For Dr. Snyder, the ruling raises more questions than provides answers, which he says must come through new legislation.  

“Even if the Texas Medical Board came out with guidance, it’s not clear how helpful a defense it would provide when a physician is in court, and we want proactive protections so we don’t have to find ourselves in court,” he said. “We need clarity, but we want legislative clarity.”   

TMB President Sherif Zaafran, MD, told the Texas Tribune in December that the board won’t issue guidance at least until other court cases related to Texas’ abortion bans are adjudicated (tma.tips/TMBTribune). He also seems to agree with Dr. Snyder on the limitations of such guidance. 

“I’m not sure how helpful it would be one way or the other,” he told Dallas television news station WFAA later that same month (tma.tips/TMBWFAA). “In the past, when we issue guidance, not following that guidance didn’t necessarily mean that you could be prosecuted in courts still.” 

The Texas Legislature won’t meet again until 2025, meaning Texas physicians and their patients likely will have to wait for such clarity. 

When that happens, TMA has something to work from.  

During the 2023 regular session, the association worked with state lawmakers on the passage of House Bill 3058, which provides physicians with some legal defenses under Texas’ trigger law when treating ectopic pregnancy or previable premature rupture of membranes, two potentially life-threatening complications. (See “Patient Care Protected: TMA Secures Big Legislative Wins With a New Strategy,” August 2023 Texas Medicine, pages 22-32, www.texmed.org/PatientCareProtected.)  

Dr. Snyder says HB 3058 is a start for future legislation that could clarify what qualifies as an emergency medical exception under the state’s abortion bans. Physicians need legislative support to know they can exercise medical judgment without fear of prosecution when a mother’s life or future fertility is at risk.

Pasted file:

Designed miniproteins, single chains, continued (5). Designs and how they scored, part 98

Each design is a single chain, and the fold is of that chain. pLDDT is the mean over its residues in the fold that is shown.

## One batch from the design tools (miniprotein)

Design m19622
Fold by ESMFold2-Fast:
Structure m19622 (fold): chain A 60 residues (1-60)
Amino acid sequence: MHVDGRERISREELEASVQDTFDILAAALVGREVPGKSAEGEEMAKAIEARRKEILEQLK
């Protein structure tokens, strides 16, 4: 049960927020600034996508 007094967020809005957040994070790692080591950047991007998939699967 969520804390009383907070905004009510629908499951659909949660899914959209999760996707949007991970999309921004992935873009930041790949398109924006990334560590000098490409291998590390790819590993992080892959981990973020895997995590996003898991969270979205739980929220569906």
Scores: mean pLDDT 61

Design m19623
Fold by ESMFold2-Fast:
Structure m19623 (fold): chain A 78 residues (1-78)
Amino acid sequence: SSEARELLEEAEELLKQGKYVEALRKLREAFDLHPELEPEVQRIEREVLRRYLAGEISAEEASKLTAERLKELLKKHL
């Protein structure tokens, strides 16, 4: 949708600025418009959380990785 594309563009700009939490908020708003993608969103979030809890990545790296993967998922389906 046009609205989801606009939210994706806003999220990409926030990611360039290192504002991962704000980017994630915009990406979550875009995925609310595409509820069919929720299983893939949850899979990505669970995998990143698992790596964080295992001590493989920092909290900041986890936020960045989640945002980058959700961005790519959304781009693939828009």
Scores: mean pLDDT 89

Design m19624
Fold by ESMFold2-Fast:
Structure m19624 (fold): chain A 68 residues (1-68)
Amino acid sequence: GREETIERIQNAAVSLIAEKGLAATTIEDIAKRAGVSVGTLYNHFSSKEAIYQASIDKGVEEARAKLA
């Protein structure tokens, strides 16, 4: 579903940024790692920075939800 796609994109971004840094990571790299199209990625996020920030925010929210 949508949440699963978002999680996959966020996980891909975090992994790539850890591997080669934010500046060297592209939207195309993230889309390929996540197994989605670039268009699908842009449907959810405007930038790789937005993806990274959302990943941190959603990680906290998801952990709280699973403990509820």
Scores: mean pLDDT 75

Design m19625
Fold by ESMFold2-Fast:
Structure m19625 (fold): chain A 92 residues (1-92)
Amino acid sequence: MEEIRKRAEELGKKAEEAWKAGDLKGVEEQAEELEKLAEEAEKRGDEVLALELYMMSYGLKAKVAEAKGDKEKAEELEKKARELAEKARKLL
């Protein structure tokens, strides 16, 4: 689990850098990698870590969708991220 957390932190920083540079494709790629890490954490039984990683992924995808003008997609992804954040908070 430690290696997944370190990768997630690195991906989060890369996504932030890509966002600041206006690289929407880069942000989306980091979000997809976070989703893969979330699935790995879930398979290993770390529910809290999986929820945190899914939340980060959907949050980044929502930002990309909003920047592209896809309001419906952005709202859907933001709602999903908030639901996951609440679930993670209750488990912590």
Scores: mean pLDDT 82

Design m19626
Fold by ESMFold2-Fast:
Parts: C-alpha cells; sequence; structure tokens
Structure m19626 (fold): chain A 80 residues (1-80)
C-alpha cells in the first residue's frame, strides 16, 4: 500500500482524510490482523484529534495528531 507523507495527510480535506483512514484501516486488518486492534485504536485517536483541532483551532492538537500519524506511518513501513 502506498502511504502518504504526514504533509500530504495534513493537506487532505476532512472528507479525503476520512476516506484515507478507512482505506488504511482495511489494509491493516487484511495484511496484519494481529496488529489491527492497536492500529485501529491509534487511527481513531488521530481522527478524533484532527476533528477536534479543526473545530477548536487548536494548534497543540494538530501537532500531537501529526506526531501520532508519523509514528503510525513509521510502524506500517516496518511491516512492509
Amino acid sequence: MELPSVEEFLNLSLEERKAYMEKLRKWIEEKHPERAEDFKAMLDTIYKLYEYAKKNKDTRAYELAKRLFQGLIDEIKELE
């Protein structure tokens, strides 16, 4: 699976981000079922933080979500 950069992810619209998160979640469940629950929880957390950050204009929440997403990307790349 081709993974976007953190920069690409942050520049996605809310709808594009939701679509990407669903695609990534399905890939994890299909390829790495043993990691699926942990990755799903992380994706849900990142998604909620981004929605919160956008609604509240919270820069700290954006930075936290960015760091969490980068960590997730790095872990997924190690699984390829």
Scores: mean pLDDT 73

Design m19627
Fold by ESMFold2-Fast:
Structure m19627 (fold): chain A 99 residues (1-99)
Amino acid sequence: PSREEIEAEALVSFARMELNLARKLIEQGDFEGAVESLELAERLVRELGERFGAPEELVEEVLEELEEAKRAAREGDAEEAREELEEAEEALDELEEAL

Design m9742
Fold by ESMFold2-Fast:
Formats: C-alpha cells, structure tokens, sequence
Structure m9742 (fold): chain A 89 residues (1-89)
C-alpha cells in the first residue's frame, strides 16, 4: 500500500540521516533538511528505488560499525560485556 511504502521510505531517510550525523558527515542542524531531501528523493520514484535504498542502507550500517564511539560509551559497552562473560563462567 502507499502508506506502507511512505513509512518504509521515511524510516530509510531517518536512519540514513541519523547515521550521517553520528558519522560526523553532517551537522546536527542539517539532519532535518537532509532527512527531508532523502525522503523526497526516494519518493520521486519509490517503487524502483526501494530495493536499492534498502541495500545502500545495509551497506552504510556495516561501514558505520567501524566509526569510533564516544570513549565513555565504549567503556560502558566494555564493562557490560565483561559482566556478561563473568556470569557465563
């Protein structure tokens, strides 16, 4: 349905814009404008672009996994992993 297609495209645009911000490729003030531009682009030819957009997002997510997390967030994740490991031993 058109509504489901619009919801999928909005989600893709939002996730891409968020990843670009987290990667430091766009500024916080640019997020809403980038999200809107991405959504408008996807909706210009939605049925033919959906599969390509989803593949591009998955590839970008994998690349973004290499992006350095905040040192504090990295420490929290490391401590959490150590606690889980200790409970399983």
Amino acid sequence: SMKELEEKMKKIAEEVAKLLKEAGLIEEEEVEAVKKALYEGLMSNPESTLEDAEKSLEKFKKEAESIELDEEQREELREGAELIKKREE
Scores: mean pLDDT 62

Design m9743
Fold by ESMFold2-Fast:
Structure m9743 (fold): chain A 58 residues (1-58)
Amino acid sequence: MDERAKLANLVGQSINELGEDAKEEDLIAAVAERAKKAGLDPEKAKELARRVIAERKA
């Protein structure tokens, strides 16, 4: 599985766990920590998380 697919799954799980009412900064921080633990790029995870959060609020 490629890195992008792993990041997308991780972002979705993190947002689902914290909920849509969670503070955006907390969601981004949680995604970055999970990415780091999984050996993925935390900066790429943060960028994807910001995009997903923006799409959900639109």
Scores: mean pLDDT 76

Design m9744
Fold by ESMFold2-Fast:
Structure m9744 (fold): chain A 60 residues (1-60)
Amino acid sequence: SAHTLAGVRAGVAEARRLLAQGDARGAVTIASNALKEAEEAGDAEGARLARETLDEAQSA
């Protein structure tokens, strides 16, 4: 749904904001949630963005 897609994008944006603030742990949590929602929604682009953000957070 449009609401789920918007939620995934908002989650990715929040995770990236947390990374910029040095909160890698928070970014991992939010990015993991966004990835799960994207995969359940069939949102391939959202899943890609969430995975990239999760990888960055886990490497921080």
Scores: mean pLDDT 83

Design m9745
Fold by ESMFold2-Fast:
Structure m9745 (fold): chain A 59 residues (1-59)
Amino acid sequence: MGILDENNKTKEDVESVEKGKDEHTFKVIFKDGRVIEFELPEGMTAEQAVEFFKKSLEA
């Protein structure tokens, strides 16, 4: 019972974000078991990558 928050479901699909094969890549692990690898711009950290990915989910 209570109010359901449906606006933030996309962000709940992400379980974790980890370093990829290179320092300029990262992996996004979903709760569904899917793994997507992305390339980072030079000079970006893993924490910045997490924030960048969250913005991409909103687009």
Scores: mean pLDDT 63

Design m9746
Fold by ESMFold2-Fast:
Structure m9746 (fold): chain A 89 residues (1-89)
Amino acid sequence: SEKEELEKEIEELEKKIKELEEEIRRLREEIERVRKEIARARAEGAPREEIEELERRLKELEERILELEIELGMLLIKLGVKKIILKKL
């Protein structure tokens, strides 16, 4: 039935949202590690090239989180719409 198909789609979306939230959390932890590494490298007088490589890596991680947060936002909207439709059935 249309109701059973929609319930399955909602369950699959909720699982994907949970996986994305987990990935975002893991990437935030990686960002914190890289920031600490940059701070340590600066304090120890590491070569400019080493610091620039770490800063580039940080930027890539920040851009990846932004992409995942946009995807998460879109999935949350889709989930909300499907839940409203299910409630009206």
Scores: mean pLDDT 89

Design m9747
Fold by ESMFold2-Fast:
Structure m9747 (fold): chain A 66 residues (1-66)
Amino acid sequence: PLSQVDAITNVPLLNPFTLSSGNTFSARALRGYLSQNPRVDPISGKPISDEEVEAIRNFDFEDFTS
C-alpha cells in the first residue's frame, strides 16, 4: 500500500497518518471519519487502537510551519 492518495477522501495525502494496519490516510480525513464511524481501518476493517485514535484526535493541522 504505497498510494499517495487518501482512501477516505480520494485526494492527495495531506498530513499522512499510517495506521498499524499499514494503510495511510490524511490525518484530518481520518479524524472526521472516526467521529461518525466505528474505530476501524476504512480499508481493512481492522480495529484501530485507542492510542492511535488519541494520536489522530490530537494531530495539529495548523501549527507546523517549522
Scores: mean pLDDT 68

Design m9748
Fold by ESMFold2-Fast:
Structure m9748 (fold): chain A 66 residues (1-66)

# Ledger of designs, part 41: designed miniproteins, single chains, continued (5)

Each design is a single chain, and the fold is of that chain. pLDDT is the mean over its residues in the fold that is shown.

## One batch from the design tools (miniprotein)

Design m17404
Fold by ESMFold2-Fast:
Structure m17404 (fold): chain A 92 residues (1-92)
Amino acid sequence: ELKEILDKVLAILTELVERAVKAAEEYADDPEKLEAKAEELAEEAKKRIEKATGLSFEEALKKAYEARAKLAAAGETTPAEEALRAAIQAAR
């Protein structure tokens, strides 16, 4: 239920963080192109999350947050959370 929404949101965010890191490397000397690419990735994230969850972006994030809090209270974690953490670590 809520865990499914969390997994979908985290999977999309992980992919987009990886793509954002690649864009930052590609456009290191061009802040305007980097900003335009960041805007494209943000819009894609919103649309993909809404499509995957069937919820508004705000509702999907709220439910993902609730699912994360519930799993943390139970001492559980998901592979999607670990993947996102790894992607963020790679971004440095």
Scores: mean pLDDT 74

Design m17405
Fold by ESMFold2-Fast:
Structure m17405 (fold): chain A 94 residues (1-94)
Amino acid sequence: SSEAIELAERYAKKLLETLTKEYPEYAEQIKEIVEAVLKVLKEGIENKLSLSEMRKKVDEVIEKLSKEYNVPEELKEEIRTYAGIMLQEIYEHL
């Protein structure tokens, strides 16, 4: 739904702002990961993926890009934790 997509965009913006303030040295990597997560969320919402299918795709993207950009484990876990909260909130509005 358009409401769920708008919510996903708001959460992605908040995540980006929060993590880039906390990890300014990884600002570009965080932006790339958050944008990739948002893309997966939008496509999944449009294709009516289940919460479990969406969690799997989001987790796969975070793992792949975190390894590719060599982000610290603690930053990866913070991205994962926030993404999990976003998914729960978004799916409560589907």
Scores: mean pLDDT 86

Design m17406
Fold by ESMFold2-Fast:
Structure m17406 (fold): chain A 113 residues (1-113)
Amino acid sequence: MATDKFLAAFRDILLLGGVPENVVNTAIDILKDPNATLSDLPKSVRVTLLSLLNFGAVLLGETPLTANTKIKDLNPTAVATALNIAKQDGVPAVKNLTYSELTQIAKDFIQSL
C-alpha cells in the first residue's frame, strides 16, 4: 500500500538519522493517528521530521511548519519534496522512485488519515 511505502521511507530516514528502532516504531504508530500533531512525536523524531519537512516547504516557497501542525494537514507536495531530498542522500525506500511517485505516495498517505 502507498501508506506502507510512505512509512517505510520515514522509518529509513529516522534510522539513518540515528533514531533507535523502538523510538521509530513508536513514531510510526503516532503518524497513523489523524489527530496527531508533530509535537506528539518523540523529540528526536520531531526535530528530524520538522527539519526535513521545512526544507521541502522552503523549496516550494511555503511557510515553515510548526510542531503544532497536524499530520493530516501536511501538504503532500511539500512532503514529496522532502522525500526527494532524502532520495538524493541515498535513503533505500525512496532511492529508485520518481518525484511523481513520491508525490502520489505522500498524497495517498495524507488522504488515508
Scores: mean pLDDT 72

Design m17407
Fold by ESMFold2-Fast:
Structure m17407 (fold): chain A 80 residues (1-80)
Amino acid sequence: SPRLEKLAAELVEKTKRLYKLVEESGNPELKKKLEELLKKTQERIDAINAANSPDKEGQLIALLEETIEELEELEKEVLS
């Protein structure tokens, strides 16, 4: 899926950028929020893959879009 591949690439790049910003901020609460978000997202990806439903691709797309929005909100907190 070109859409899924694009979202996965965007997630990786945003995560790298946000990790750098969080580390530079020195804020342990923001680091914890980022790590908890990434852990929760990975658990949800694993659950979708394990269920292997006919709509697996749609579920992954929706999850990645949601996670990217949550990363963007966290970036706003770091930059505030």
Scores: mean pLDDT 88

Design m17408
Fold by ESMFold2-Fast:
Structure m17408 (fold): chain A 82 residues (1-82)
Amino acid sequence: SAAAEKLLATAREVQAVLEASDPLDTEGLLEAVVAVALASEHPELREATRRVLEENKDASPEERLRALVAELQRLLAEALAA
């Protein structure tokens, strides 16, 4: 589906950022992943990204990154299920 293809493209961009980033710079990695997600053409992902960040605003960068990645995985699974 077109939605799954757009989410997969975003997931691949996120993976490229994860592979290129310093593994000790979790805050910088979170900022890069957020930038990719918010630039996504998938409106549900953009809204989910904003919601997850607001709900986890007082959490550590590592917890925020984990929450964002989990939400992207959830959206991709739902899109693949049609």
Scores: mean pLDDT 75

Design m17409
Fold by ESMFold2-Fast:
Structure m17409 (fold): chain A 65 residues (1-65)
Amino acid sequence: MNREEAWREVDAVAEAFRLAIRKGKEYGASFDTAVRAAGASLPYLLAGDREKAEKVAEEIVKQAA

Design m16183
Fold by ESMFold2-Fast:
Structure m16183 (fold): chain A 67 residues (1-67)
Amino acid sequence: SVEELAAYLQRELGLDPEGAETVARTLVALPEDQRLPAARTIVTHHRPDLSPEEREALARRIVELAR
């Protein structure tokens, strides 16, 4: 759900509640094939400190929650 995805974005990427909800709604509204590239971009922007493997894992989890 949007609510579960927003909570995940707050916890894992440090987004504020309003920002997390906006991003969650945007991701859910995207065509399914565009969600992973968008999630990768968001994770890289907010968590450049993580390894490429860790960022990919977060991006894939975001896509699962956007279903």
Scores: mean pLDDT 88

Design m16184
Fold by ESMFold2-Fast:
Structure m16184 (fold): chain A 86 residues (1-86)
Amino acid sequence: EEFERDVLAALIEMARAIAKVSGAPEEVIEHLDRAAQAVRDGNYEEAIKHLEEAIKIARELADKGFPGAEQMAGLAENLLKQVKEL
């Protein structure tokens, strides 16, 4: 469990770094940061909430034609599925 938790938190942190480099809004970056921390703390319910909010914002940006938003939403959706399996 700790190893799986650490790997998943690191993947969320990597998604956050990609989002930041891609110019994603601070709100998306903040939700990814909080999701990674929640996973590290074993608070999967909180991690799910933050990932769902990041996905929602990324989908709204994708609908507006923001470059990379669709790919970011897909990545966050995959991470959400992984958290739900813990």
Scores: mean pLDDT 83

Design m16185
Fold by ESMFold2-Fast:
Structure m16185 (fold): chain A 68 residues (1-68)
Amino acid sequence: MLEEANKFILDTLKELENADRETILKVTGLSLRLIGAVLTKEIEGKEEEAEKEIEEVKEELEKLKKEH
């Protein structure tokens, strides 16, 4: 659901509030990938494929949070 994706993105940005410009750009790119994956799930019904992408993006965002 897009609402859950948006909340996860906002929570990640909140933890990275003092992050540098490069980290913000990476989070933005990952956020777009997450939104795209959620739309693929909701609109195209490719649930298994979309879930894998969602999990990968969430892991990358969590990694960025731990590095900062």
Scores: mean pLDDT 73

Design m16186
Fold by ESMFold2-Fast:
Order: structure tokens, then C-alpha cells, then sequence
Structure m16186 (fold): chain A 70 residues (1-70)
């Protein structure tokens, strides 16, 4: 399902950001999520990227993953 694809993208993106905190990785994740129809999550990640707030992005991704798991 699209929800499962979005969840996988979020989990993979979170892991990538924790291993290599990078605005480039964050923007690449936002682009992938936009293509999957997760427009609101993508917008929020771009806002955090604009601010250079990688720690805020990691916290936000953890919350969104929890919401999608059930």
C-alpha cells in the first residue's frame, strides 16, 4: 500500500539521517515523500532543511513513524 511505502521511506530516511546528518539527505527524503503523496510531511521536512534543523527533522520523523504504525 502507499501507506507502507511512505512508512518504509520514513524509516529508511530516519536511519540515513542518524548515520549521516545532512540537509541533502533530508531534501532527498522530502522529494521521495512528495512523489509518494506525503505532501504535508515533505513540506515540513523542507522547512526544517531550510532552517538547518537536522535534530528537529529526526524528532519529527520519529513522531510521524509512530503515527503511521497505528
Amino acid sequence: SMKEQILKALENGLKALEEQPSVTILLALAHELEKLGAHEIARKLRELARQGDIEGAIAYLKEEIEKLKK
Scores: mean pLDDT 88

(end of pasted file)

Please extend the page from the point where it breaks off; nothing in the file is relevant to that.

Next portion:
“We’ve already done it once,” he said. “We need to expand upon that.” 

In the interim, Dr. Snyder continues to meet with TMA members across the state, many of whom would like to see legislation that includes medical exceptions for the status of the fetus, which would have made a difference in Ms. Cox’s case. 

“If the fetus has certain catastrophic, nonviable conditions, there should be exceptions,” Dr. Snyder said. “That’s what I’m hearing.”

NOTICE: The Texas Medical Association provides this information with the express understanding that 1) no attorney-client relationship exists, 2) neither TMA nor its attorneys are engaged in providing legal advice, and 3) the information is of a general character. This is not a substitute for the advice of an attorney. While effort is made to ensure that content is complete, accurate, and timely, TMA cannot guarantee the accuracy and totality of the information contained in this publication and assumes no legal responsibility for loss or damages resulting from the use of this content. You should not rely on this information when dealing with personal legal matters; rather legal advice from retained legal counsel should be sought. This information is provided as a commentary on legal issues and is not intended to provide advice on any specific legal matter. Certain links provided with this information connect to websites maintained by third parties. TMA has no control over these websites or the information, goods, or services provided by third parties. TMA shall have no liability for any use or reliance by a user on these third-party websites. 

This article includes general information on recent developments to the legal framework governing abortions in Texas. It does not address every aspect of these developments, nor how they would interact with each other when applied to a particular situation. It also does not address the extensive legal framework of Texas laws on abortion that existed prior to the recent developments. Due to the complexity and evolving nature of the law in this area, and potential criminal, civil, and administrative liability for violating these laws, individuals should consult with their own retained counsel for legal advice relating to abortions. 

Last Updated On

March 05, 2024

Originally Published On

February 29, 2024

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Emma Freer

Associate Editor

(512) 370-1383

Emma Freer is a reporter for Texas Medicine. She previously worked in local news, covering city politics, economic development, and public health. A native Clevelander, she graduated from Columbia Journalism School and the University of St. Andrews.